rubens, peter paul | religious - single-figure | sotheby's l16030lot8q39gen:
Follower of Sir Peter Paul Rubens
SAINT MATTHEW
oil on oak panel
38.6 by 18.2 cm.; 15 1/4  by 7 1/8  in.

Matthew the Apostle was, according to the Bible, one of the twelve apostles of Jesus and, according to Christian tradition, one of the four Evangelists. Among the early followers and apostles of Jesus, Matthew is mentioned in Matthew 9:9 and Matthew 10:3 as a publican who, while sitting at the "receipt of custom" in Capernaum, was called to follow Jesus. Matthew may have collected taxes from the Hebrew people for Herod Antipas. Matthew is also listed among the twelve, but without identification of his background, in Mark 3:18, Luke 6:15 and Acts 1:13. In passages parallel to Matthew 9:9, both Mark 2:14 and Luke 5:27 describe Jesus' calling of the tax collector Levi, the son of Alphaeus, but Mark and Luke never explicitly equate this Levi with the Matthew named as one of the twelve 

Later Church fathers such as Irenaeus (Against Heresies 3.1.1) and Clement of Alexandria claim that Matthew preached the Gospel to the Jewish community in Judea, before going to other countries. Ancient writers are not agreed as to what these other countries are.[6] The Roman Catholic Church and the Orthodox Church each hold the tradition that Matthew died as a martyr, although this was rejected by the gnostic heretic Heracleon as early as the second century. More


Sir Peter Paul Rubens (28 June 1577 – 30 May 1640) was a Flemish Baroque painter. A proponent of an extravagant Baroque style that emphasized movement, colour, and sensuality, Rubens is well known for his Counter-Reformation altarpieces, portraits, landscapes, and history paintings of mythological and allegorical subjects.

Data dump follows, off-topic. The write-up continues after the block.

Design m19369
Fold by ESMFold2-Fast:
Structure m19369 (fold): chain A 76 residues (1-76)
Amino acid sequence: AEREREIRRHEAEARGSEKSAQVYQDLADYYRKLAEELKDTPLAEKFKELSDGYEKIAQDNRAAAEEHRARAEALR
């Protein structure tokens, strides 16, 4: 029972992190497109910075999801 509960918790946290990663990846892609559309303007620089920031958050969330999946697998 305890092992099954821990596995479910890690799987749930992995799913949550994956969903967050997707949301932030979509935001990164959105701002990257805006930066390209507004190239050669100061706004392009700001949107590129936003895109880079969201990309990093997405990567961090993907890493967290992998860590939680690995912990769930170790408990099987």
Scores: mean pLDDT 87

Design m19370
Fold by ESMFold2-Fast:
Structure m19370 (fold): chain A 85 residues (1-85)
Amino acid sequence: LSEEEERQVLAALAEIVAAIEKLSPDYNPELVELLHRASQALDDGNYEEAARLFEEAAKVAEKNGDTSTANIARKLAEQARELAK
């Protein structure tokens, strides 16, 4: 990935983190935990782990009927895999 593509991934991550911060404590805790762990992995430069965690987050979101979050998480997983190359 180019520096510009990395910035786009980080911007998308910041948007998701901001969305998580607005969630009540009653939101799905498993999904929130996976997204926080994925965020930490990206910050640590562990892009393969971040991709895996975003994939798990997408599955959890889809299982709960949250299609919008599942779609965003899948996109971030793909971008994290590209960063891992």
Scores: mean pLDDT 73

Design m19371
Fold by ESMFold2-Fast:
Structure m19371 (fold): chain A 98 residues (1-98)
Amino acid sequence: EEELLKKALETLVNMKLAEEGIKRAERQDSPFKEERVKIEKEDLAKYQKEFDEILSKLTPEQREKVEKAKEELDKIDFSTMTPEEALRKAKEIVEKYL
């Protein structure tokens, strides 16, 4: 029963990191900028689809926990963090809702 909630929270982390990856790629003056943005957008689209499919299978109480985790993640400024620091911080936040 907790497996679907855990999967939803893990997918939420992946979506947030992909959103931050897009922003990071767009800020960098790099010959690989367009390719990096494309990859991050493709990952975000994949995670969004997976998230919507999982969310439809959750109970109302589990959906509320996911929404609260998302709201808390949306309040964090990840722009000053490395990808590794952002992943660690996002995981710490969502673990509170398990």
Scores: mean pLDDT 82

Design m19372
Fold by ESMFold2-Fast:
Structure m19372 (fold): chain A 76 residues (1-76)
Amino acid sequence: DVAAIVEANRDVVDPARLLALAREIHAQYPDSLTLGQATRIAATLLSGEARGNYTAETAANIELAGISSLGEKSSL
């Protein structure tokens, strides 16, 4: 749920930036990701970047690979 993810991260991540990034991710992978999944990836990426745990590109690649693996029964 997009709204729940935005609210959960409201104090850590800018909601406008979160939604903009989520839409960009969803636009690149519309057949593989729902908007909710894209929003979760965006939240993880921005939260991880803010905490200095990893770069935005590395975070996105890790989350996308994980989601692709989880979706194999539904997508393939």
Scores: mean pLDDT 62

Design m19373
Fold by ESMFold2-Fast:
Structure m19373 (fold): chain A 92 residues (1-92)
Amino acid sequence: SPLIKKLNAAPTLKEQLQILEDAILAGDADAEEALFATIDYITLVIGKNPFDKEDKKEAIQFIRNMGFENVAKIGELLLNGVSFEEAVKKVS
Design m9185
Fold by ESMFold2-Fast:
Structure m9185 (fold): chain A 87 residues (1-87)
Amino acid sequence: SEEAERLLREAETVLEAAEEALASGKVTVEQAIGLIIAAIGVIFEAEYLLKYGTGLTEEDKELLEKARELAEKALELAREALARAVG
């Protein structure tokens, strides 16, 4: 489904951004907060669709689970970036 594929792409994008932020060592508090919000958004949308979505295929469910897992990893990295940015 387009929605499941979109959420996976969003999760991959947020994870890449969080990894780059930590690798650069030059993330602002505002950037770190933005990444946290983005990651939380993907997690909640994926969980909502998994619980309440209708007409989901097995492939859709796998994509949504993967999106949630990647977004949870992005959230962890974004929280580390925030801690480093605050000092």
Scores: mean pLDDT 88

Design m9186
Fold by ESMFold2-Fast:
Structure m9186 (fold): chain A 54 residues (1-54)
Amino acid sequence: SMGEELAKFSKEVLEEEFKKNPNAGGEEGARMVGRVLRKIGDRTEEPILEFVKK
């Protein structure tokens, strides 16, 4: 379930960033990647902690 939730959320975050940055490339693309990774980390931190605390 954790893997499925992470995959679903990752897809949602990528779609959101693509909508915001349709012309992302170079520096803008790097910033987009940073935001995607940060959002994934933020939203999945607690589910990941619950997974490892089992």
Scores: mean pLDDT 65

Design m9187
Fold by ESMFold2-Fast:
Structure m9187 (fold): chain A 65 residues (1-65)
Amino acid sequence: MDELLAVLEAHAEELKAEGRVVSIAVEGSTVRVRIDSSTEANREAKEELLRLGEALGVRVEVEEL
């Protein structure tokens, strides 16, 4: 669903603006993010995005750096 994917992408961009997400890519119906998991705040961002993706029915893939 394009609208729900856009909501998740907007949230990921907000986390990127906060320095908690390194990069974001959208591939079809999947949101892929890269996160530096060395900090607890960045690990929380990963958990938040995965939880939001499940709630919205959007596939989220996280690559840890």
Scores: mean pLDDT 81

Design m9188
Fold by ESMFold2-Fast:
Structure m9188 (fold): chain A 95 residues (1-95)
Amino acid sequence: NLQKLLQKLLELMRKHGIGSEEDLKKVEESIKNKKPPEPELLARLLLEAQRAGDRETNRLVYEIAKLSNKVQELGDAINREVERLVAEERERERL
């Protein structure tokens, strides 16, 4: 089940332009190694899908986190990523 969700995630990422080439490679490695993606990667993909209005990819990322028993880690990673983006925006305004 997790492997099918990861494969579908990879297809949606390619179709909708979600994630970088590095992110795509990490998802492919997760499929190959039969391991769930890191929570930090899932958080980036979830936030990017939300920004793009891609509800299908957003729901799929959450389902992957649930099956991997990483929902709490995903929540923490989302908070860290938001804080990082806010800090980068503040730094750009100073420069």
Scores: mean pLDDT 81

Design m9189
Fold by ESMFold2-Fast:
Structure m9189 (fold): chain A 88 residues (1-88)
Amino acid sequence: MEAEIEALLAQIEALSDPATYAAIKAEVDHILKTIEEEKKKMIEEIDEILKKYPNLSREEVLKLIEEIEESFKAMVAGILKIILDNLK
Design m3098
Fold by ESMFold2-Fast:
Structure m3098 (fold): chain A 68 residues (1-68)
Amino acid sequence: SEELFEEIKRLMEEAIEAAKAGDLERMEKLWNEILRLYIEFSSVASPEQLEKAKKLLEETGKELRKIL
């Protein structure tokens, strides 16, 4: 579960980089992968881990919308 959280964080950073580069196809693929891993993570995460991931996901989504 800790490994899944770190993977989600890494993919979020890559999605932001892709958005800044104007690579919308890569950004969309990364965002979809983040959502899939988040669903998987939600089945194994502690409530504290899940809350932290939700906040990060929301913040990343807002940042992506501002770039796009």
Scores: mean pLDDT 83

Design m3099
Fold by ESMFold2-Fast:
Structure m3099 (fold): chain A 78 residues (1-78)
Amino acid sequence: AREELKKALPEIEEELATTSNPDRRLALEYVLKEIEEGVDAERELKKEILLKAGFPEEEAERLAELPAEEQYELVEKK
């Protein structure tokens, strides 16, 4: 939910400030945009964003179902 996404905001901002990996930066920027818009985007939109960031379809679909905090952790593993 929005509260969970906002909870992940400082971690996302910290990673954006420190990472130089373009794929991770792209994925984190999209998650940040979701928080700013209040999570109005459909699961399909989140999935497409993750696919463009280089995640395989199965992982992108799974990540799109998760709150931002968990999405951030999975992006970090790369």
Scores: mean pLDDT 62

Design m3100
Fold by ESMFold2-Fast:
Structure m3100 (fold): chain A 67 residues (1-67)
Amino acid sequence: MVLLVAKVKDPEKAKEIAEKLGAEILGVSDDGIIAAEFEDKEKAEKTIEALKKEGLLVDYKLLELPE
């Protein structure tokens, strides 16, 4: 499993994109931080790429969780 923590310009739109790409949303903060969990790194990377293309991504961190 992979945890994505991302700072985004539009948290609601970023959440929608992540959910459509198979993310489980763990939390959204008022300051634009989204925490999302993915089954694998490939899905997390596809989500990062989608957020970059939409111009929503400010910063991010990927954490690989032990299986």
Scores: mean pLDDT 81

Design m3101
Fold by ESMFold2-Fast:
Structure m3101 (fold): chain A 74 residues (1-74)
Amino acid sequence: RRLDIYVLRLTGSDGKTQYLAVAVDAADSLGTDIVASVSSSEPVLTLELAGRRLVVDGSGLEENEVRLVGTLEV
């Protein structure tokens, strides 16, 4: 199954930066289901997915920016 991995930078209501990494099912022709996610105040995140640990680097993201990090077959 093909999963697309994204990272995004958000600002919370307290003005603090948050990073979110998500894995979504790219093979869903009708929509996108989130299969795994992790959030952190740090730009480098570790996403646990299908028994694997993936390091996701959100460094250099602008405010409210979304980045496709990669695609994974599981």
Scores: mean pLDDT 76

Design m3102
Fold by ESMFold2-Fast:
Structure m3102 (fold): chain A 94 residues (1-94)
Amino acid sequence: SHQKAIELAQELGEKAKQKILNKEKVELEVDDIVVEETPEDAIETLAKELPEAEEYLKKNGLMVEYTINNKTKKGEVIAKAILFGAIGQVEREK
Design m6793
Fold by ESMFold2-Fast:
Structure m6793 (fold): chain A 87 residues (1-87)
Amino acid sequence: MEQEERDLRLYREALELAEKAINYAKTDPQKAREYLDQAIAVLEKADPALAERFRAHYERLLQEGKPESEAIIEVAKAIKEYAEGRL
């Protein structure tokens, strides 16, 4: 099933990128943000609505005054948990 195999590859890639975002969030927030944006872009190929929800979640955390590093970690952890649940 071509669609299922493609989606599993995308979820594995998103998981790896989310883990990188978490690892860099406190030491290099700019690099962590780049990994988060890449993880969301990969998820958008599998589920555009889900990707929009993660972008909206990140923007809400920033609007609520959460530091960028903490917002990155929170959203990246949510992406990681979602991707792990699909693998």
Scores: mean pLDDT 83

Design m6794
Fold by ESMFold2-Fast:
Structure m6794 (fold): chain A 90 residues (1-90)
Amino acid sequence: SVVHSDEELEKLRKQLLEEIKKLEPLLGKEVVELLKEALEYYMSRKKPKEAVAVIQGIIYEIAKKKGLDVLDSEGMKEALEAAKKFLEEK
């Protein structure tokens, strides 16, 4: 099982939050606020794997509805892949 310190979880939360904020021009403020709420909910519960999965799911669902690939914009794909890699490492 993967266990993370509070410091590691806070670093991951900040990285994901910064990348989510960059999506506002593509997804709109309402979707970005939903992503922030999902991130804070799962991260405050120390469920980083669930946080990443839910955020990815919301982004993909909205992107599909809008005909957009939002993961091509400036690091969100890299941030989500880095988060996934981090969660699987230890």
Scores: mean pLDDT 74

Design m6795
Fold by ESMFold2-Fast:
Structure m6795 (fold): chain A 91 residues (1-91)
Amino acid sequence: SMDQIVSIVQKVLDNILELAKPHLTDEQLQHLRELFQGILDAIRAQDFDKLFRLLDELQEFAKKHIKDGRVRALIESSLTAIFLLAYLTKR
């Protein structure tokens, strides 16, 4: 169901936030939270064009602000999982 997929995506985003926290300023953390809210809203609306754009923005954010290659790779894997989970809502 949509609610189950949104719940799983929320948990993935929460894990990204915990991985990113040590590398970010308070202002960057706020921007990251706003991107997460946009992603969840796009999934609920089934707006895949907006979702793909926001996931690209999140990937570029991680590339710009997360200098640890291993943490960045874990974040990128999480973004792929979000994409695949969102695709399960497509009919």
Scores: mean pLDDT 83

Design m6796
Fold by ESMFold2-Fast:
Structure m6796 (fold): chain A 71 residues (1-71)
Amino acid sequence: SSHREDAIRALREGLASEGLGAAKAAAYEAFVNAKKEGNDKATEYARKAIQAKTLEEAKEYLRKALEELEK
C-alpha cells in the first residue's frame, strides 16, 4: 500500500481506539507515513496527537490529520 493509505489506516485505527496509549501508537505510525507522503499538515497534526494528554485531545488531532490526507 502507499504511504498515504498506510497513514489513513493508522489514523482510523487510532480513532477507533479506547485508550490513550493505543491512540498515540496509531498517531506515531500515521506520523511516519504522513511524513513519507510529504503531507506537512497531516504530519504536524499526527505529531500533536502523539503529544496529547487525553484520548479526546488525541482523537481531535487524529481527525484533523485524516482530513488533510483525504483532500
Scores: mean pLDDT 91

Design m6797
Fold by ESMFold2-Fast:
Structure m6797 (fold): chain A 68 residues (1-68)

In addition to running a large studio in Antwerp that produced paintings popular with nobility and art collectors throughout Europe, Rubens was a classically educated humanist scholar and diplomat who was knighted by both Philip IV of Spain and Charles I of England. More


school of toledo sa | religious - non biblical | sotheby's l16030lot8d2w9en:
School of Toledo, early 17th Century
SAINT LOUIS IX OF FRANCE WITH THE ARCHANGEL MICHAEL, IN A LANDSCAPE
oil on panel
117.8 by 66.1 cm.; 46 3/8  by 26 in.


Louis IX (25 April 1214 – 25 August 1270), commonly known as Saint Louis, was a Capetian King of France who reigned from 1226 until his death. Louis was crowned in Reims at the age of 12, following the death of his father Louis VIII the Lion. As an adult, Louis IX faced recurring conflicts with some of the most powerful nobles, such as Hugh X of Lusignan and Peter of Dreux. Simultaneously, Henry III of England tried to restore his continental possessions, but was defeated at the battle of Taillebourg. His reign saw the annexation of several provinces, notably Normandy, Maine and Provence.



Louis's actions were inspired by Christian values. He decided to punish blasphemy, gambling, interest-bearing loans and prostitution, and bought the relics of Christ for which he built the Sainte-Chapelle. More

School of Toledo. In 1577 Toledo was the religious capital of Spain and a populous city with "an illustrious past, a prosperous present and an uncertain future". During the 1570s the huge monastery-palace of El Escorial was still under construction and Philip II of Spain was experiencing difficulties in finding good artists for the many large paintings required to decorate it. 

After Giovanni Antonio Boltraffio, 16th Century
The Madonna and Child 
oil on panel
53 x 39cm (20 7/8 x 15 3/8in).